There is a moment of almost universal dread when a landlord’s initial lease draft is first delivered to the tenant. What had been a 10-page term sheet suddenly mutates into a 200-page document. Yet, buried within the draft is necessary language that serves to protect all parties from potential hazards. While some of the verbiage is legalese, much of it contains significant material elements that could adversely impact the tenant if not fully understood.
Many leases contain a clause regarding the tenant’s Real Estate Tax Escalation. Simply stated, this addresses a tenant’s responsibility for their proportionate share of the building’s real estate tax. While there are several nuances involved in the negotiation of the provision, the leases are typically straightforward. Yet, there are periodic instances when the traditional Real Estate Tax Escalation is replaced by a different mechanism. In these cases, the provision demands extra careful treatment.
These are the buildings that have a Payment in Lieu of (Real Estate) Taxes program, often referred to as a PILOT. Programs such as PILOT were established by property owners in partnership with the City of New York in an effort to incentivize development. A PILOT program exempts landlords and developers from paying real estate taxes, and makes them pay a prescribed fee, which is generally much less than the real estate tax, with the savings typically passed on to the tenant.
The classic New York City example is the massively successful Times Square redevelopment initiative. The city—in collaboration with a number of developers—implemented a series of PILOT programs, which were actually introduced over 15 years ago. The area’s evolution from red-light district to bustling business destination is a testament to the significance of the programs. Times Square’s broadly acknowledged resurgence is partially responsible for the city’s continued utilization of the PILOT tool, particularly when attempting to resuscitate downtrodden neighborhoods or spark otherwise prohibitively expensive redevelopment.
However, PILOTs are not permanent, as most have a time horizon of 20 years. Throughout the next 10 years, many of the Times Square tenants credited with transforming the neighborhood will face significant occupancy expense increases when their PILOT programs expire and are replaced with traditional Real Estate Tax Escalations.
For instance, 7 Times Square, the iconic Skidmore Owings & Merrill tower on the corner of 42nd Street and Broadway, was built in 2004 on a ground lease owned by the City of New York. The building’s tenants currently benefit from a PILOT that is due to expire in June 2024. In fact, almost every existing tenant in that building has a lease expiration preceding that date. Faced with the prospect of an enormous cost increase, many may choose to relocate to a new address. Ironically, their alternatives will include Hudson Yards and the World Trade Center, each boasting their own newer PILOT programs.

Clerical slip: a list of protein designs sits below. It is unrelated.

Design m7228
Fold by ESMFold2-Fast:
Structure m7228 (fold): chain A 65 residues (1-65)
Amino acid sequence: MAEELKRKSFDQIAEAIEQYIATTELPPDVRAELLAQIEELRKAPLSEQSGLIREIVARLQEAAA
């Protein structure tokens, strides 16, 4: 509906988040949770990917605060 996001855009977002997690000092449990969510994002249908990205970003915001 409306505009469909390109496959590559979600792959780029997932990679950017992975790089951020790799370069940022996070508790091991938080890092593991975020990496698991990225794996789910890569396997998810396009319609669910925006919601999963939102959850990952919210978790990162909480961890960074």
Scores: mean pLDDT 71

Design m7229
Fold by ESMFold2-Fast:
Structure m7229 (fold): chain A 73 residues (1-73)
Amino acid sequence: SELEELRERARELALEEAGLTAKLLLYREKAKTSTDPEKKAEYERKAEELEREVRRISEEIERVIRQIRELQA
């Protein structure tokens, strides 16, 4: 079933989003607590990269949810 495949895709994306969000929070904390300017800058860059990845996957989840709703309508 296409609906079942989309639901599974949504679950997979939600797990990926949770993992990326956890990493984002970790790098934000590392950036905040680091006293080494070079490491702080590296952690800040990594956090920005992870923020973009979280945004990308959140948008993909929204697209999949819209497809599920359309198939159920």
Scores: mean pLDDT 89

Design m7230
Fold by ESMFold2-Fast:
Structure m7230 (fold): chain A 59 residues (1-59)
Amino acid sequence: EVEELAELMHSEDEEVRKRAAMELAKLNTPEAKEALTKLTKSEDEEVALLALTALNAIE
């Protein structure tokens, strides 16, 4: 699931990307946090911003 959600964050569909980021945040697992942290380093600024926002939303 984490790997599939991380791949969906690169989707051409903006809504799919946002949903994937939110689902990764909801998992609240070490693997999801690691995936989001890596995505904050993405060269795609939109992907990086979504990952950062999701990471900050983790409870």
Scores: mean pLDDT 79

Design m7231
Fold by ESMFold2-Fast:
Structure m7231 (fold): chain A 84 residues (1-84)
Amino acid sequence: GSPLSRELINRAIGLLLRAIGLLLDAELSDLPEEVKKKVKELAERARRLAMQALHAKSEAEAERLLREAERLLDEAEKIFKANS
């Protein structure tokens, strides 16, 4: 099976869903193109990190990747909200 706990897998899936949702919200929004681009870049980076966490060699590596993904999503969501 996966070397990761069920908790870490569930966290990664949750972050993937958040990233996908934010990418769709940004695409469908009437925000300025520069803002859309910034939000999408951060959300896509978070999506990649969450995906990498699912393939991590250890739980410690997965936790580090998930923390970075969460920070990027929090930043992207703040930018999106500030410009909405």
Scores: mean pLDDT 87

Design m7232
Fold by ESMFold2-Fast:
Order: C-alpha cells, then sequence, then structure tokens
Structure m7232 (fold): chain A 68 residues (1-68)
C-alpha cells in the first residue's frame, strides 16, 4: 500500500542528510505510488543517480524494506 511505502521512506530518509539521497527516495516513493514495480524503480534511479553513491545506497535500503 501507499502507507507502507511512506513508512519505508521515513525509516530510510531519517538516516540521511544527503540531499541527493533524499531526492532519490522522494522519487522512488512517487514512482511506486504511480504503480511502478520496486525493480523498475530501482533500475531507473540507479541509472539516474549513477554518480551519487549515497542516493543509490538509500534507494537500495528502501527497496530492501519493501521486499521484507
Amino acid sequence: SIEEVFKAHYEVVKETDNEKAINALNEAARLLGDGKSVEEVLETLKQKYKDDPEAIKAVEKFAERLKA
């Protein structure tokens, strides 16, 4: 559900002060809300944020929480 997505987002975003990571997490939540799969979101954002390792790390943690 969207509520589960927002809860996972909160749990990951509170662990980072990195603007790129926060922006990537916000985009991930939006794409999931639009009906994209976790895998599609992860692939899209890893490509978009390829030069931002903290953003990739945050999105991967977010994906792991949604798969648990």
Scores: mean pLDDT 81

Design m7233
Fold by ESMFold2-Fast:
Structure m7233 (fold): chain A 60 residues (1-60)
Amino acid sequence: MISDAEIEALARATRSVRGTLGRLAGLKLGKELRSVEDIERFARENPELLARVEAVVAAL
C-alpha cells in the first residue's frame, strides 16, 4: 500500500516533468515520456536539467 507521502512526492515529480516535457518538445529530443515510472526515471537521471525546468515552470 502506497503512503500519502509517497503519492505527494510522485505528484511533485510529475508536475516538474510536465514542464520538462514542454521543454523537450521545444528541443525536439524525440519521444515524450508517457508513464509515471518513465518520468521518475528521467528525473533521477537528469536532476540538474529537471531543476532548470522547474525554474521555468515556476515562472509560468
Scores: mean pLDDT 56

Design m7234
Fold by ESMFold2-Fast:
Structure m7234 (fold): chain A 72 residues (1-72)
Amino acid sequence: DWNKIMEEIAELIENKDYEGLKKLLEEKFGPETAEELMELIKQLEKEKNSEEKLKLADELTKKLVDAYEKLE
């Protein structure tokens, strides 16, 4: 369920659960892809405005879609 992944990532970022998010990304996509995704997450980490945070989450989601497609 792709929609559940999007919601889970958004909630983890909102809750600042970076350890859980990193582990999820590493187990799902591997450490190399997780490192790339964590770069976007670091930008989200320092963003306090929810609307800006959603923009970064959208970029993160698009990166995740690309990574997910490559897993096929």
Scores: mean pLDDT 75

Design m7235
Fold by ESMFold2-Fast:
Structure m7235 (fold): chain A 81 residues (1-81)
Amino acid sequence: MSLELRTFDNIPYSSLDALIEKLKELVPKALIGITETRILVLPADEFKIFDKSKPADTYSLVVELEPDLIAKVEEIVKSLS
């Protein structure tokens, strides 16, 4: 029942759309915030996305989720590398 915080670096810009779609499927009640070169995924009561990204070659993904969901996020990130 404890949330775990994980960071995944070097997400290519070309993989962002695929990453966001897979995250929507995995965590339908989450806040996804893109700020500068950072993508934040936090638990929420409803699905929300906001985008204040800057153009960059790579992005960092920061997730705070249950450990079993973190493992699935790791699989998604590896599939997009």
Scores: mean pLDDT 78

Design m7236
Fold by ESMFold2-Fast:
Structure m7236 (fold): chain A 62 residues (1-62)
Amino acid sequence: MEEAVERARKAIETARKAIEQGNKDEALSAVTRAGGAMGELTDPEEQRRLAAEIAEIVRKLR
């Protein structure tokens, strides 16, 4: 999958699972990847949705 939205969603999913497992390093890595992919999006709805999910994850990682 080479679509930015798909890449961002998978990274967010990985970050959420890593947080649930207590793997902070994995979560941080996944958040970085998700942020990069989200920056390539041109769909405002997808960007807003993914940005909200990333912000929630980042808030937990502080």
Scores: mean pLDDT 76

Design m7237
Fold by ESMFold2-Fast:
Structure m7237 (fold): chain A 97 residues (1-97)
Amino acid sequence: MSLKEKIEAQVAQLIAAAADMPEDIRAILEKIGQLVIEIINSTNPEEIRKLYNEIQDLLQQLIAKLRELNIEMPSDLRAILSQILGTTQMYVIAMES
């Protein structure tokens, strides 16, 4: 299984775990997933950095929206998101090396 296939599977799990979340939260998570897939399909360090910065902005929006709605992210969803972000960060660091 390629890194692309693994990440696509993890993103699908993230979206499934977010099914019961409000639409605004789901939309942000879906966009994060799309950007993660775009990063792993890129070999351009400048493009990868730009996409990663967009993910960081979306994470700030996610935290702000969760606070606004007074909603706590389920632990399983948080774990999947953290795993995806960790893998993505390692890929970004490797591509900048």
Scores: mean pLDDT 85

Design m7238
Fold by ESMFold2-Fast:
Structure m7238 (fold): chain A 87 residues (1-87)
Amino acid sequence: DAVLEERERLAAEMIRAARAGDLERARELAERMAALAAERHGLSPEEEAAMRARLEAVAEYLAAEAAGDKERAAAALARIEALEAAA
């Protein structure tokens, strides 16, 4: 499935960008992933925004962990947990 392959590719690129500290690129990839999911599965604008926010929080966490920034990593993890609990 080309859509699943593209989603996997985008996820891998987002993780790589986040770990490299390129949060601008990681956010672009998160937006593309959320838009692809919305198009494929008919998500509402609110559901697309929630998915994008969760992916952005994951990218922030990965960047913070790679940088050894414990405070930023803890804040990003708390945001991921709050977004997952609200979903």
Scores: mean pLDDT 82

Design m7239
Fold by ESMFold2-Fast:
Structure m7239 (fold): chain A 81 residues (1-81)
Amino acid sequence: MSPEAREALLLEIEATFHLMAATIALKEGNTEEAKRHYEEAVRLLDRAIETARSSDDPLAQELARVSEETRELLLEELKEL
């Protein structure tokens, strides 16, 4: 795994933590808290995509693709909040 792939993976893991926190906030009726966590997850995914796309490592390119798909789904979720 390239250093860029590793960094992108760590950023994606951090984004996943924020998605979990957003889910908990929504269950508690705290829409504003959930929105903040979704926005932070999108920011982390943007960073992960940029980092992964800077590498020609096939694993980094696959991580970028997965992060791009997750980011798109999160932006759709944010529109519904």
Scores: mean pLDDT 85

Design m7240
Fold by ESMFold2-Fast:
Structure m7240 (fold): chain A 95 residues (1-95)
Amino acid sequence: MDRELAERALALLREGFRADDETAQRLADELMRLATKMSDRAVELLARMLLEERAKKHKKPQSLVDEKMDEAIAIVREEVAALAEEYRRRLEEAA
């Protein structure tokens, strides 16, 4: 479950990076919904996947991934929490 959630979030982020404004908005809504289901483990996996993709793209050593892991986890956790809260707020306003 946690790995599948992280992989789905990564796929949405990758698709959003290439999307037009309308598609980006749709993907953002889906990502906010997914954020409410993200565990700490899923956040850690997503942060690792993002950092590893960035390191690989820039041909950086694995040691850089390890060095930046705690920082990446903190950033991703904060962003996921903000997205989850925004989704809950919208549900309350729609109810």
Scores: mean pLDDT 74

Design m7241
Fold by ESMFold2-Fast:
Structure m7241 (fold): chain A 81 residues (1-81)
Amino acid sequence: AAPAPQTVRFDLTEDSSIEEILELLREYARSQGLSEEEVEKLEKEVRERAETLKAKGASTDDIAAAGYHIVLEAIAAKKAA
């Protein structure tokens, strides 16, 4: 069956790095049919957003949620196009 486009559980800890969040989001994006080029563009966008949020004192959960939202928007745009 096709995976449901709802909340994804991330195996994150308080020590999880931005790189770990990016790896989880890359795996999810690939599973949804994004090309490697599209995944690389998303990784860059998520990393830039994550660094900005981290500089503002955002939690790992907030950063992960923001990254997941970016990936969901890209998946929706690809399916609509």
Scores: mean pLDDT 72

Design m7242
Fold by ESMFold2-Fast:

The building at 7 Times Square is just one of many of the neighborhood assets facing the prospect of losing its tenants. The Durst Organization’s 4 Times Square is already grappling with the likelihood of the building being mostly vacant by 2021 due to Condé Nast’s relocation to 1 World Trade Center and Skadden Arps’ planned move to Brookfield Property Partners’ Manhattan West. Perhaps most interestingly for the rest of Manhattan is how these impending overall changes will affect the general Times Square vibe. As the office tenant roster shifts, the neighborhood will witness inevitable retail and residential changes, along with the introduction of new company signage along The Crossroads of the World.
As we inch closer to the expiration of the Times Square PILOT programs and begin to see the first tenant migrations, it is important to remember the program’s significance in attracting the current crop of tenants. Any company contemplating signing a lease with a PILOT should understand the ramifications of the program’s expiration timing and the potential bottom line impact of a conversion to Real Estate Tax Escalation, as we’re now seeing how a bit of upfront due diligence could help structure a more strategic lease and potentially avoid the need to relocate.
This article originally appeared in The Commercial Observer.